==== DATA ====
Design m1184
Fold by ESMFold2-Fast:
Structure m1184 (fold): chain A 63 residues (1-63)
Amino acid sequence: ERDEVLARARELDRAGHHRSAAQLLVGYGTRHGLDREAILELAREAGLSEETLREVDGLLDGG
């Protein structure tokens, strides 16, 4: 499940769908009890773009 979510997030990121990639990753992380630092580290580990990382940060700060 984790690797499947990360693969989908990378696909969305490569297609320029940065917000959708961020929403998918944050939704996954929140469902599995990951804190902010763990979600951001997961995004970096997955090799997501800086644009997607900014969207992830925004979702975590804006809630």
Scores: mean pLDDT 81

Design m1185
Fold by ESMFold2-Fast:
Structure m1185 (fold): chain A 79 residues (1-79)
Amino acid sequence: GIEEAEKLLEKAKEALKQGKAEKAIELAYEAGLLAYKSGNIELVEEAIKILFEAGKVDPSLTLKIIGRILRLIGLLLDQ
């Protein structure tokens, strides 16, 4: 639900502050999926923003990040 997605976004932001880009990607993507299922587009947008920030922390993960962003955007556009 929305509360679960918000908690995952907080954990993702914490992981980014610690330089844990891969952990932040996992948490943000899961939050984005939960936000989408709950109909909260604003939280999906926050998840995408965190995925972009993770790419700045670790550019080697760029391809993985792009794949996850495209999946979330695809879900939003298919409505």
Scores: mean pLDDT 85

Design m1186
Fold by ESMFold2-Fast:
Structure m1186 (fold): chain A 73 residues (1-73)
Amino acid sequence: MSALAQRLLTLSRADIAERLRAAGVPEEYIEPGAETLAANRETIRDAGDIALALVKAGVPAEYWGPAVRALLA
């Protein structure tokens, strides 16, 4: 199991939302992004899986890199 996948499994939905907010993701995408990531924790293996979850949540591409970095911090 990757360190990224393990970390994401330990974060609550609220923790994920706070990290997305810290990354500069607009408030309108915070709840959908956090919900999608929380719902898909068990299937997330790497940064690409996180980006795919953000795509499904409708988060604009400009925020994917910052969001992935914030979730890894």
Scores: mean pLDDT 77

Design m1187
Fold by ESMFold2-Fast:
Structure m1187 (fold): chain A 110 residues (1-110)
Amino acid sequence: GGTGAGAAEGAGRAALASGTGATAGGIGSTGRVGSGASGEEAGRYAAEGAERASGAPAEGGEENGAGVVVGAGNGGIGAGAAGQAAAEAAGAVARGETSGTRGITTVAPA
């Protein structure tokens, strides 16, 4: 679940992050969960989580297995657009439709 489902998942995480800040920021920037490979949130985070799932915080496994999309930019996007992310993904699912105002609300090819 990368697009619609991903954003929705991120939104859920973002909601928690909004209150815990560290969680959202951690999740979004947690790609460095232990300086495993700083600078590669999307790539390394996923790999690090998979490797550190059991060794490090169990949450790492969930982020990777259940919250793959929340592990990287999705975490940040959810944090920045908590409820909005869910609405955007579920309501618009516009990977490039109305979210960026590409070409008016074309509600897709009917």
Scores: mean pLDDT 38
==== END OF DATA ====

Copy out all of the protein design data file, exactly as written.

Design m1184
Fold by ESMFold2-Fast:
Structure m1184 (fold): chain A 63 residues (1-63)
Amino acid sequence: ERDEVLARARELDRAGHHRSAAQLLVGYGTRHGLDREAILELAREAGLSEETLREVDGLLDGG
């Protein structure tokens, strides 16, 4: 499940769908009890773009 979510997030990121990639990753992380630092580290580990990382940060700060 984790690797499947990360693969989908990378696909969305490569297609320029940065917000959708961020929403998918944050939704996954929140469902599995990951804190902010763990979600951001997961995004970096997955090799997501800086644009997607900014969207992830925004979702975590804006809630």
Scores: mean pLDDT 81

Design m1185
Fold by ESMFold2-Fast:
Structure m1185 (fold): chain A 79 residues (1-79)
Amino acid sequence: GIEEAEKLLEKAKEALKQGKAEKAIELAYEAGLLAYKSGNIELVEEAIKILFEAGKVDPSLTLKIIGRILRLIGLLLDQ
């Protein structure tokens, strides 16, 4: 639900502050999926923003990040 997605976004932001880009990607993507299922587009947008920030922390993960962003955007556009 929305509360679960918000908690995952907080954990993702914490992981980014610690330089844990891969952990932040996992948490943000899961939050984005939960936000989408709950109909909260604003939280999906926050998840995408965190995925972009993770790419700045670790550019080697760029391809993985792009794949996850495209999946979330695809879900939003298919409505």
Scores: mean pLDDT 85

Design m1186
Fold by ESMFold2-Fast:
Structure m1186 (fold): chain A 73 residues (1-73)
Amino acid sequence: MSALAQRLLTLSRADIAERLRAAGVPEEYIEPGAETLAANRETIRDAGDIALALVKAGVPAEYWGPAVRALLA
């Protein structure tokens, strides 16, 4: 199991939302992004899986890199 996948499994939905907010993701995408990531924790293996979850949540591409970095911090 990757360190990224393990970390994401330990974060609550609220923790994920706070990290997305810290990354500069607009408030309108915070709840959908956090919900999608929380719902898909068990299937997330790497940064690409996180980006795919953000795509499904409708988060604009400009925020994917910052969001992935914030979730890894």
Scores: mean pLDDT 77

Design m1187
Fold by ESMFold2-Fast:
Structure m1187 (fold): chain A 110 residues (1-110)
Amino acid sequence: GGTGAGAAEGAGRAALASGTGATAGGIGSTGRVGSGASGEEAGRYAAEGAERASGAPAEGGEENGAGVVVGAGNGGIGAGAAGQAAAEAAGAVARGETSGTRGITTVAPA
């Protein structure tokens, strides 16, 4: 679940992050969960989580297995657009439709 489902998942995480800040920021920037490979949130985070799932915080496994999309930019996007992310993904699912105002609300090819 990368697009619609991903954003929705991120939104859920973002909601928690909004209150815990560290969680959202951690999740979004947690790609460095232990300086495993700083600078590669999307790539390394996923790999690090998979490797550190059991060794490090169990949450790492969930982020990777259940919250793959929340592990990287999705975490940040959810944090920045908590409820909005869910609405955007579920309501618009516009990977490039109305979210960026590409070409008016074309509600897709009917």
Scores: mean pLDDT 38